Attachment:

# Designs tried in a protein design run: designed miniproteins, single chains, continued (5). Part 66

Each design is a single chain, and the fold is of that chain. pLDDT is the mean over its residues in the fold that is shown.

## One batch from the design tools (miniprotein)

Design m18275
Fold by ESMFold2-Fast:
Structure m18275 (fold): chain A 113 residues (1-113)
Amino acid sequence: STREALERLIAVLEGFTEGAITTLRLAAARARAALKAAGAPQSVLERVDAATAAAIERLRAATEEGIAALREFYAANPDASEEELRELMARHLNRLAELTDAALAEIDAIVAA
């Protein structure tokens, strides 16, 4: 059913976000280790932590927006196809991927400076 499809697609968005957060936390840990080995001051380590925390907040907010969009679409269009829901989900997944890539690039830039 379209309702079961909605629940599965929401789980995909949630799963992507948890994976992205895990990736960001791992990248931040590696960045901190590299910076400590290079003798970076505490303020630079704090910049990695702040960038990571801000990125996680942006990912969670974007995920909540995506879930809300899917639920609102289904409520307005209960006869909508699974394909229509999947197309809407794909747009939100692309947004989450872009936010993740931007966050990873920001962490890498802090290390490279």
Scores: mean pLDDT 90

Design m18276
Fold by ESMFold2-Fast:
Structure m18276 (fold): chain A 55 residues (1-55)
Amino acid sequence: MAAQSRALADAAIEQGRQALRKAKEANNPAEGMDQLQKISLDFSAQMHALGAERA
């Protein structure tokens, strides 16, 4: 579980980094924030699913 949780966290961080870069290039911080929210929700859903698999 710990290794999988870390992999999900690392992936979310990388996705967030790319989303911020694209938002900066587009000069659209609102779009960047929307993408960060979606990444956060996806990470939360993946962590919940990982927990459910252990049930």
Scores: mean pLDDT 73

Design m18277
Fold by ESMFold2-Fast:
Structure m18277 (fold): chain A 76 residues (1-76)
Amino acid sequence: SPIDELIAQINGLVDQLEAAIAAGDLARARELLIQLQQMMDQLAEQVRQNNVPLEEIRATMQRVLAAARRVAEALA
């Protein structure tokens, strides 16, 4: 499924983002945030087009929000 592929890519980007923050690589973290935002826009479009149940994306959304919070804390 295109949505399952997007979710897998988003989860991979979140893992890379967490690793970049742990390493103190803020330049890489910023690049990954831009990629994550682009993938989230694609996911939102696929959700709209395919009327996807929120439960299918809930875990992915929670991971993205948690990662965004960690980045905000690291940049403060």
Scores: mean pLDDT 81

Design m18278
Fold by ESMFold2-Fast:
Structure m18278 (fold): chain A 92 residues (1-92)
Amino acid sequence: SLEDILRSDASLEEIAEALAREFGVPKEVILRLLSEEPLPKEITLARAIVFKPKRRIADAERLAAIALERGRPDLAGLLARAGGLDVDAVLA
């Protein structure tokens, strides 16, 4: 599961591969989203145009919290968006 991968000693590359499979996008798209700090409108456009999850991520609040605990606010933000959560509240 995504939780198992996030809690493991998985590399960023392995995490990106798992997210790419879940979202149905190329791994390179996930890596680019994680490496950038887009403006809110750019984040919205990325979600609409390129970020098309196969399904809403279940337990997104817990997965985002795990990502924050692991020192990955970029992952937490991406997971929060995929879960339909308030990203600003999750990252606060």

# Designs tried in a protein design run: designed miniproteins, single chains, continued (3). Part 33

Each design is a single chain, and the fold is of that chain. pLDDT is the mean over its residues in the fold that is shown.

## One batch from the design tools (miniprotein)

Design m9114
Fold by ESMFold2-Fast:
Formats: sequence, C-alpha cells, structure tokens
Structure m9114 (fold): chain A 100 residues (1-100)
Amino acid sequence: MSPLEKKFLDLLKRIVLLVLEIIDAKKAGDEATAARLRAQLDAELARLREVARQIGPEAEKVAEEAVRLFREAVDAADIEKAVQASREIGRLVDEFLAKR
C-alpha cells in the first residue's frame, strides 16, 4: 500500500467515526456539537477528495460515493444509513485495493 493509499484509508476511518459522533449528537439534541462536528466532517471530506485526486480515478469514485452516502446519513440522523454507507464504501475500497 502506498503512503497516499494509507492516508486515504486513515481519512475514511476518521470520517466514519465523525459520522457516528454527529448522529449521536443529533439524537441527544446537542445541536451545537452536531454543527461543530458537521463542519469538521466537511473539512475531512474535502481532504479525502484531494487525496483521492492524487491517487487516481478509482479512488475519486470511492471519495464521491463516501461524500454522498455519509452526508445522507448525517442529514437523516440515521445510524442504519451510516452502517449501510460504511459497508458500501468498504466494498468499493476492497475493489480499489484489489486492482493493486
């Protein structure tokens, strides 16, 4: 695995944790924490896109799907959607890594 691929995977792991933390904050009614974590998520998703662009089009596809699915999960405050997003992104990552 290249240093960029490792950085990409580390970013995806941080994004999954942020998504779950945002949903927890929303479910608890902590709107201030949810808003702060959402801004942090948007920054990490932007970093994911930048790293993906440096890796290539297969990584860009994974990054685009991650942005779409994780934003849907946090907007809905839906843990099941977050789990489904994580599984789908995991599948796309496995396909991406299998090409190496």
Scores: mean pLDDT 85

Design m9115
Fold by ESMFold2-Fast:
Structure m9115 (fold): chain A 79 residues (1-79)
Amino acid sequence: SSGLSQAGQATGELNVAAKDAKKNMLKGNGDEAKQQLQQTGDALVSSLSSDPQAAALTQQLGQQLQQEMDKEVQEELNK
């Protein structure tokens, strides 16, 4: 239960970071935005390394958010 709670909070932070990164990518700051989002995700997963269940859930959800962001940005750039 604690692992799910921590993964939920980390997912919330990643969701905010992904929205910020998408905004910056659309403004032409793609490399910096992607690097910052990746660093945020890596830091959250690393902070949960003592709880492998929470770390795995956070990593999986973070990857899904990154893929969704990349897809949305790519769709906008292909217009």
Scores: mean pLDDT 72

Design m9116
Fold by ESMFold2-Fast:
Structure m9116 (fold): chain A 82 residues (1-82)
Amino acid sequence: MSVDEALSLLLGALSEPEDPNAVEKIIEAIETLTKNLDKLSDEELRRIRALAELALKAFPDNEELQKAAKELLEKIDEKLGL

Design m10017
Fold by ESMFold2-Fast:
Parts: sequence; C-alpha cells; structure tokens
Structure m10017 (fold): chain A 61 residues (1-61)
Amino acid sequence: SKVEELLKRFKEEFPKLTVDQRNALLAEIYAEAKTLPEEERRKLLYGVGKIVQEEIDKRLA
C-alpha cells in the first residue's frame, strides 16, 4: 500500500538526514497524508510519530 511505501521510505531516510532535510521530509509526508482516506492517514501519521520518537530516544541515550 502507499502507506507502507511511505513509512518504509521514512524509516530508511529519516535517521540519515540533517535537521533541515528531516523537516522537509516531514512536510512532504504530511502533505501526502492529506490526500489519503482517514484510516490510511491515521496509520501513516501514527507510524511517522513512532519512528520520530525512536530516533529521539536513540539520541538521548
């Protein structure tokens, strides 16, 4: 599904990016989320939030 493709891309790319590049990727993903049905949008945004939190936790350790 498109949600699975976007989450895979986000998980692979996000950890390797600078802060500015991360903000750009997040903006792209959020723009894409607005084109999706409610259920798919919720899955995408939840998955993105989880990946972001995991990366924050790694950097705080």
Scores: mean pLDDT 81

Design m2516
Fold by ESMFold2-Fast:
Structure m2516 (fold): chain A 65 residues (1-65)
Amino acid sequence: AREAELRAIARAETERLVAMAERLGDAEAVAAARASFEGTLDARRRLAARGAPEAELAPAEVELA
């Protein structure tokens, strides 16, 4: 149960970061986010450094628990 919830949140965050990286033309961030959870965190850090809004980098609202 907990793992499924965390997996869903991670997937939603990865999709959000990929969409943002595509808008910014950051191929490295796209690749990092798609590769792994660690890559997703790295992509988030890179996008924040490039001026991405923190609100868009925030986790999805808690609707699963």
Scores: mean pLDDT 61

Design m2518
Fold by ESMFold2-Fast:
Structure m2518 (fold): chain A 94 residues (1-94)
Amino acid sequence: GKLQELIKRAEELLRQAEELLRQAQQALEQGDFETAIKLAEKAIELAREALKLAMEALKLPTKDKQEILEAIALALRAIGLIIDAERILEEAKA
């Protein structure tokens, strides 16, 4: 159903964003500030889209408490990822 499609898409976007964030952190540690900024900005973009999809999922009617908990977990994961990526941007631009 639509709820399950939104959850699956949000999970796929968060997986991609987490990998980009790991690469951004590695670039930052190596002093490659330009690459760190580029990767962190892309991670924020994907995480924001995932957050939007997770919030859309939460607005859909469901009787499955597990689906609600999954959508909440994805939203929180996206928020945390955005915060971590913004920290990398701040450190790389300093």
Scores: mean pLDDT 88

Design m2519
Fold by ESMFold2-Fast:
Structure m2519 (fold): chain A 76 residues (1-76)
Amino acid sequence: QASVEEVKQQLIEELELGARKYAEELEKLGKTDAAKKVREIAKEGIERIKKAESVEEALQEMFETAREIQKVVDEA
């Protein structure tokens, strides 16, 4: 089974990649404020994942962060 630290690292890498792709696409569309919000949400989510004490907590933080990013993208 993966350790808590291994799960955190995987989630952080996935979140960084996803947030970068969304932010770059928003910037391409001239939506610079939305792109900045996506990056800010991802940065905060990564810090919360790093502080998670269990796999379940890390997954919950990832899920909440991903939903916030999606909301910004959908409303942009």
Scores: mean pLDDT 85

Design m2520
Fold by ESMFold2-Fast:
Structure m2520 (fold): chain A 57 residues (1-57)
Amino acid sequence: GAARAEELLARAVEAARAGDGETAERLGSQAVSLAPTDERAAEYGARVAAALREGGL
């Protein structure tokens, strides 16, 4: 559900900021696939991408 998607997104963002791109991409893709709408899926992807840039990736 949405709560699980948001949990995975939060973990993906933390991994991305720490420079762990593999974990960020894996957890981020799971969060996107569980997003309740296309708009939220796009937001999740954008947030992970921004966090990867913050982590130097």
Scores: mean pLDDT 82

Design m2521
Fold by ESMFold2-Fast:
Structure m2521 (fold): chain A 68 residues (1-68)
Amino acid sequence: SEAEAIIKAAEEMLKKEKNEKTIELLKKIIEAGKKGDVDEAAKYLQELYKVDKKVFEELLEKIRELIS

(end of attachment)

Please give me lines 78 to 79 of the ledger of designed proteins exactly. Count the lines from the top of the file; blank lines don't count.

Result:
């Protein structure tokens, strides 16, 4: 559900900021696939991408 998607997104963002791109991409893709709408899926992807840039990736 949405709560699980948001949990995975939060973990993906933390991994991305720490420079762990593999974990960020894996957890981020799971969060996107569980997003309740296309708009939220796009937001999740954008947030992970921004966090990867913050982590130097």
Scores: mean pLDDT 82